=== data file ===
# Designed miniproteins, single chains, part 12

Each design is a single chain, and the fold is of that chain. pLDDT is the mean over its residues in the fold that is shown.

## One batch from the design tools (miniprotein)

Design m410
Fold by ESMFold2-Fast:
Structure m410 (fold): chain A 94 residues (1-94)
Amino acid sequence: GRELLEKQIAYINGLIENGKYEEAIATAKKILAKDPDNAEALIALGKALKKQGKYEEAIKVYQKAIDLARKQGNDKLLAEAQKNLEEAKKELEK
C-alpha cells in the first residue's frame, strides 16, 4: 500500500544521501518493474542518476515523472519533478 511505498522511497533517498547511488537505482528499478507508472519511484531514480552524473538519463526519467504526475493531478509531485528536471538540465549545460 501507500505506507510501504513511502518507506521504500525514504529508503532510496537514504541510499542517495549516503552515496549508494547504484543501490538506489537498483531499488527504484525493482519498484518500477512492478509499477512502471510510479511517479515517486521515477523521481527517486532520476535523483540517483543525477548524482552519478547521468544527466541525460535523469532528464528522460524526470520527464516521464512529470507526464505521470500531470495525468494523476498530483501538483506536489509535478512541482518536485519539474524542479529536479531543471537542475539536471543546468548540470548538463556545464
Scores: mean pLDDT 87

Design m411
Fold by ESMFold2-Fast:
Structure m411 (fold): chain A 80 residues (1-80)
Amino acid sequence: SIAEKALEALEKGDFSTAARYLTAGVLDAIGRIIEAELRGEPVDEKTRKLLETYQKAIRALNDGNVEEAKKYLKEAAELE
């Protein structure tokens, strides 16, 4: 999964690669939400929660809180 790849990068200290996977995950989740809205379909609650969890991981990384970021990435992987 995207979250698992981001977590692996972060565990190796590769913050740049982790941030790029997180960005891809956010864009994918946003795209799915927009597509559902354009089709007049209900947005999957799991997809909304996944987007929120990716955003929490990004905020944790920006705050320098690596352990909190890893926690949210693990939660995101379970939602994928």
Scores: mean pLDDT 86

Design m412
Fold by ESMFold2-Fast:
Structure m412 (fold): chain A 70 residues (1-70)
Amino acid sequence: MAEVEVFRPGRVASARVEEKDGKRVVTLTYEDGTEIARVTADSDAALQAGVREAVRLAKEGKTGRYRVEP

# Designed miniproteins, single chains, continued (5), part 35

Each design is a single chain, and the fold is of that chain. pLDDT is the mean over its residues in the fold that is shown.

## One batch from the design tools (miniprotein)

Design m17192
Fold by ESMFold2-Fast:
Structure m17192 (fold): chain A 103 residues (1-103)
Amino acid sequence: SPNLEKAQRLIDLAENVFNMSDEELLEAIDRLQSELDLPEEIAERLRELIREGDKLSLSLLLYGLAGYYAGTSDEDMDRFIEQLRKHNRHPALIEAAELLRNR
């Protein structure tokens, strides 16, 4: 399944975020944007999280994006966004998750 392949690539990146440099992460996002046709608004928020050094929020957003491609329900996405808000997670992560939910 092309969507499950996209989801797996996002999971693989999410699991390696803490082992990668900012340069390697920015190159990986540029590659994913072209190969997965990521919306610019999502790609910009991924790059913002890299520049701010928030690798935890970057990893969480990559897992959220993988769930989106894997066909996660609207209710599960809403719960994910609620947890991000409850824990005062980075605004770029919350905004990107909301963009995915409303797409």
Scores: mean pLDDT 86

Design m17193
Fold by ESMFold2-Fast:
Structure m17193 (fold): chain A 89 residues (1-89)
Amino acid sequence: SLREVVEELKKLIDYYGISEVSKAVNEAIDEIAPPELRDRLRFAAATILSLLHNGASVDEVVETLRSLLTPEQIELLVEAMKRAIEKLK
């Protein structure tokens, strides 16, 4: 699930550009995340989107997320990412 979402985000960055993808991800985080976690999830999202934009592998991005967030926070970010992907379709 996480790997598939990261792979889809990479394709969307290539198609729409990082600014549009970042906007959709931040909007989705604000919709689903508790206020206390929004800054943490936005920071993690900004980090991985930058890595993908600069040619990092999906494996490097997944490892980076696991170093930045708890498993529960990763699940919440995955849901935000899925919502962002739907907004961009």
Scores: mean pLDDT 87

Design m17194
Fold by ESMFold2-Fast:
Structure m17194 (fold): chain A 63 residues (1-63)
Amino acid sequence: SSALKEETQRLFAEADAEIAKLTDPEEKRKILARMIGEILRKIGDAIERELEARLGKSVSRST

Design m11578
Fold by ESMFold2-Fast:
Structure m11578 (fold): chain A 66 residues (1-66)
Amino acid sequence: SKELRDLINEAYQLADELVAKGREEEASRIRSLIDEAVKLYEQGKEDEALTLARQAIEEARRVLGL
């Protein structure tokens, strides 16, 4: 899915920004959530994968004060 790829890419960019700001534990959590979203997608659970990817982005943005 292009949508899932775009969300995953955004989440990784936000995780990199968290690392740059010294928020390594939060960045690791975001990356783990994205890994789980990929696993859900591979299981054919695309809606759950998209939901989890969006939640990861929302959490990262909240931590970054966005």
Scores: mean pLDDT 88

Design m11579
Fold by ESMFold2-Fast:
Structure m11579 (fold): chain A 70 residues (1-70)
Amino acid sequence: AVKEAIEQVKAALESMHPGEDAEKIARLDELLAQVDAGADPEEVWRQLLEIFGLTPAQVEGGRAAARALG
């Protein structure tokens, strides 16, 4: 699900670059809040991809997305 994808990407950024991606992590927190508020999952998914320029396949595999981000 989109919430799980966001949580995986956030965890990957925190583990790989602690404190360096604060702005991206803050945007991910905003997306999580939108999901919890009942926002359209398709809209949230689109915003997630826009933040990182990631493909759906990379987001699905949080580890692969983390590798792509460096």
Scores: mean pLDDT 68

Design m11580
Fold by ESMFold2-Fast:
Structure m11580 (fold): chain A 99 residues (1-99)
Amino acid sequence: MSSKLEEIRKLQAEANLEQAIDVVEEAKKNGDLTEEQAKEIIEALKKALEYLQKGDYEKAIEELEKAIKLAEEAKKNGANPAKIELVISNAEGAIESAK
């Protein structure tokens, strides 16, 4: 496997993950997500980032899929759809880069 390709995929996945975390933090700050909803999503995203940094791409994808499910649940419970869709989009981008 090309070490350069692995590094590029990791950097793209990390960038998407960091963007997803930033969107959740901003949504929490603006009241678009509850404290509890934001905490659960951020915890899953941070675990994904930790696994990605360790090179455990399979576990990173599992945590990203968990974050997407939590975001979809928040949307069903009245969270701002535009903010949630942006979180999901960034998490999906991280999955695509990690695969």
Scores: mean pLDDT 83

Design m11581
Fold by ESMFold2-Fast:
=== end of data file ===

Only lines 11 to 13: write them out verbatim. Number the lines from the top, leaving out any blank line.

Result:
Fold by ESMFold2-Fast:
Structure m411 (fold): chain A 80 residues (1-80)
Amino acid sequence: SIAEKALEALEKGDFSTAARYLTAGVLDAIGRIIEAELRGEPVDEKTRKLLETYQKAIRALNDGNVEEAKKYLKEAAELE